Heat wave in the Antarctic
There is good news and bad news about climate change and our adaptations to it.
First the bad news:
The temperature in Antarctica soared last week to nearly 70 degrees, appearing to topple another continental record set there just a few days earlier.
The Capitol Weather Gang and The Washington Post reported that a weather research station on Seymour Island in the Antarctic Peninsula registered a temperature of 69.3 degrees on Feb. 9.
That's in the land of ice, folks, on our planet's coldest continent.
And, according to the World Meteorological Organization, last weekend saw an iceberg about twice the size of District of Columbia — about 136 square miles — break from the Pine Island Glacier in West Antarctica.
Now the good news:
Some Republicans have seen the light. They can now say the words "climate change."
In Florida, one of the most climate threatened states, Rep. Chris Sprowl began the blasphemous turn last fall in a speech designating him the next speaker of the Florida House: "We need to stop being afraid of words like 'climate change' and 'sea level rise'." You think?
The same thing is happening (shhhh) in Washington, D.C., where top GOP officials are preparing their own climate legislation in response to concerns from young Republicans who say the party has been ignoring the issue.
Gee, it must be election season.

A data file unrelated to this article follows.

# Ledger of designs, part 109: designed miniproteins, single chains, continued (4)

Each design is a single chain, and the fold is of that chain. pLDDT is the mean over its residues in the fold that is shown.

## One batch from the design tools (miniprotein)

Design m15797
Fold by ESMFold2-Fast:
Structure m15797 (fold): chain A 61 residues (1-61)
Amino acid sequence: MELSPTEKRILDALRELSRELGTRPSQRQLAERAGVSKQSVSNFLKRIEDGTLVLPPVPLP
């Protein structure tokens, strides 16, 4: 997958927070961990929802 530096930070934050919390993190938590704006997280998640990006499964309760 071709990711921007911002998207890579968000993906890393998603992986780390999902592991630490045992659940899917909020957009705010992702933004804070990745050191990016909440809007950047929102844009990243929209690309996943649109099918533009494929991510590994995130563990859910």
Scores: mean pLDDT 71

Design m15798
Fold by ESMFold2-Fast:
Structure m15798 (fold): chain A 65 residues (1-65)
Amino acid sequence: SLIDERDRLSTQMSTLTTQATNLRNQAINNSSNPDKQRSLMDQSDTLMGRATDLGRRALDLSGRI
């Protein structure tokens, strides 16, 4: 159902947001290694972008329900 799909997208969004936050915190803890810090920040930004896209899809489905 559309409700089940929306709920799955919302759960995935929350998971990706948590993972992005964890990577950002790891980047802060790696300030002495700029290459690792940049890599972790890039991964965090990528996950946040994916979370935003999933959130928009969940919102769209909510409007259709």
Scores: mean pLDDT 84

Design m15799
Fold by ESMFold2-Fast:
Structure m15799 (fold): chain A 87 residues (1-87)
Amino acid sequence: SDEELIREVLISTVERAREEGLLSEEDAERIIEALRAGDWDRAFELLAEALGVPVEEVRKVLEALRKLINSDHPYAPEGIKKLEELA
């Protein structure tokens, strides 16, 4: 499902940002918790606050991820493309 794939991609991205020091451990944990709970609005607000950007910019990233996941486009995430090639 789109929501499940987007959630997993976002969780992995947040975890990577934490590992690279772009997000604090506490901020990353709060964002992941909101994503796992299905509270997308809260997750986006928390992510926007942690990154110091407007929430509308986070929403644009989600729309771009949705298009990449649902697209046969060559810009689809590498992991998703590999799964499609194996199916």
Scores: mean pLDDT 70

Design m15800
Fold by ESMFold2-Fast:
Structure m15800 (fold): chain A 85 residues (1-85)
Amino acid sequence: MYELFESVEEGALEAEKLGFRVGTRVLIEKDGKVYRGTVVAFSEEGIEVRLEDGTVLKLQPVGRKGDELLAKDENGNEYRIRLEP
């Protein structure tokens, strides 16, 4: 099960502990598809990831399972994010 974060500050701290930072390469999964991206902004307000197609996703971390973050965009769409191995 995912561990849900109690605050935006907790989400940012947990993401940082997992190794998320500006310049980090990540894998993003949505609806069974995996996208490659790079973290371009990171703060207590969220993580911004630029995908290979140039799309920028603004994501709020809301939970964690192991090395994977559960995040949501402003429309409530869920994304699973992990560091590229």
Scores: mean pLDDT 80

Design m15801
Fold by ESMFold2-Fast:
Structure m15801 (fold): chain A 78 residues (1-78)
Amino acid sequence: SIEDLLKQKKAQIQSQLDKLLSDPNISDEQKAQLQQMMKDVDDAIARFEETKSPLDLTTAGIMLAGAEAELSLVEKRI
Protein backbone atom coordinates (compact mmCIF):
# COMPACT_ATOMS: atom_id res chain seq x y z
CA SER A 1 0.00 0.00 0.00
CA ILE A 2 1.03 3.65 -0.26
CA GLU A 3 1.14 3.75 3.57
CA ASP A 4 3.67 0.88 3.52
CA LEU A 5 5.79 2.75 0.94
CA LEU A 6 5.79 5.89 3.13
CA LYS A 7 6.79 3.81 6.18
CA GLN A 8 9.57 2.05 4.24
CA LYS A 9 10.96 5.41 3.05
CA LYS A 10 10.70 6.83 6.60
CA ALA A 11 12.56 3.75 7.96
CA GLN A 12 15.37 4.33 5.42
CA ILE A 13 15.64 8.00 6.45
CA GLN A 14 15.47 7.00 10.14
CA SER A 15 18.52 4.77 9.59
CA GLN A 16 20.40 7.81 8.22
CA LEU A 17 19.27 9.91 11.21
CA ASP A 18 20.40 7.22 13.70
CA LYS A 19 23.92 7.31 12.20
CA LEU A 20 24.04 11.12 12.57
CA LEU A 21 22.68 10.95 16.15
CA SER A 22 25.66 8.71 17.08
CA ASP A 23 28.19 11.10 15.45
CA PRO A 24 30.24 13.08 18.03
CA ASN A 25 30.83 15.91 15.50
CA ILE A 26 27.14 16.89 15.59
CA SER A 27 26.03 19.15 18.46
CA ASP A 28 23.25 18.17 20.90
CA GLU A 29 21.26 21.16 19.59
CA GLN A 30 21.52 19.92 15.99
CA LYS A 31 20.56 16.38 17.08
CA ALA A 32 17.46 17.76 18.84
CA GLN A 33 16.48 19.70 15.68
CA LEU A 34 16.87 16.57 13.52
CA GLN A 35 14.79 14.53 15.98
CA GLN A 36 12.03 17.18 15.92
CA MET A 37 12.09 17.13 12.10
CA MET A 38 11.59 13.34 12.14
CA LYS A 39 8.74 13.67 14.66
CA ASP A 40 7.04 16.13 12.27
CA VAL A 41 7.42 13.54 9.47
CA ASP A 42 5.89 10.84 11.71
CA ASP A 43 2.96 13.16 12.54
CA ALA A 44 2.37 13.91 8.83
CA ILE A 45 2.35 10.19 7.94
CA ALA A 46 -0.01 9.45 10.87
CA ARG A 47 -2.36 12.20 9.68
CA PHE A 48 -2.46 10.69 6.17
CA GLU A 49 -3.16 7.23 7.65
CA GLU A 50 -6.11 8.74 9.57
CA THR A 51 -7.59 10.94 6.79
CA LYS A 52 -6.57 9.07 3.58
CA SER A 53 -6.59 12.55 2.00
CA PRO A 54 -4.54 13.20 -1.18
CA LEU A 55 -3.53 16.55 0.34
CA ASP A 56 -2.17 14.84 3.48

But NASCAR gets it
NASCAR, on the other hand, sees the engines of the future.
The NASCAR Cup Series's 2020 season got underway Sunday at the Daytona 500. The country's most popular motorsport — and especially here in the South — is revving its engines for the sharpest turn in its 72-year history — a shift to hybrid, battery-assisted engines.
Don't worry, fans. Your ear-splitting muscle roar will still be there — with a little extra help from an added battery-powered component that, on certain tracks, "complements rather than replaces" the current engines that get about 6 mpg, NASCAR President Steve Phelps told The Washington Post.
More shifts will come as hybrid technology evolves, and the full turn is expected as early as 2023.
The change is imperative if NASCAR hopes to stay relevant to Ford, Chevrolet and Toyota, the automakers that drive the sport, Phelps said.
Tee-hee. Can't you see those cute little Priuses doing burnouts on the finish line?
But we digress.
TVA may finally get it
The Tennessee Valley Authority has crawled out of the coal mines and begun looking to the sun for more of its power in the future. The federal utility announced last week that it is boosting its solar energy capacity by 44% from a year ago by adding 484 megawatts of new contracted solar generation. That will include a $200 million solar farm near Columbus, Mississippi, that would both generate and store electric power.
"This is the first time that we're announcing a solar project that is at the right price that if customers want it, we can offer this renewable power to them, and if not enough customers want this power we will buy it for our system needs," said Doug Perry, TVA's vice president of commercial energy solutions. "And it will come with a 50-megawatt battery — our first utility-scale battery."
TVA also has begun studying whether to buy 2,474 acres in Alabama near Muscle Shoals to build up to a 227-megawatt solar farm — the biggest solar generation project owned by TVA.
And, hey, guys. How about Bellefonte?
The downside is that TVA will at the same time shift away from from its earlier support for small rooftop solar power. Critics claim the change will limit the growth of a key element in solar power generation, but TVA says the new policy will better support its Green Invest program, which delivers renewable energy to customers like Google, Facebook and Amazon that are increasingly demanding it.
Be bold. Do it all.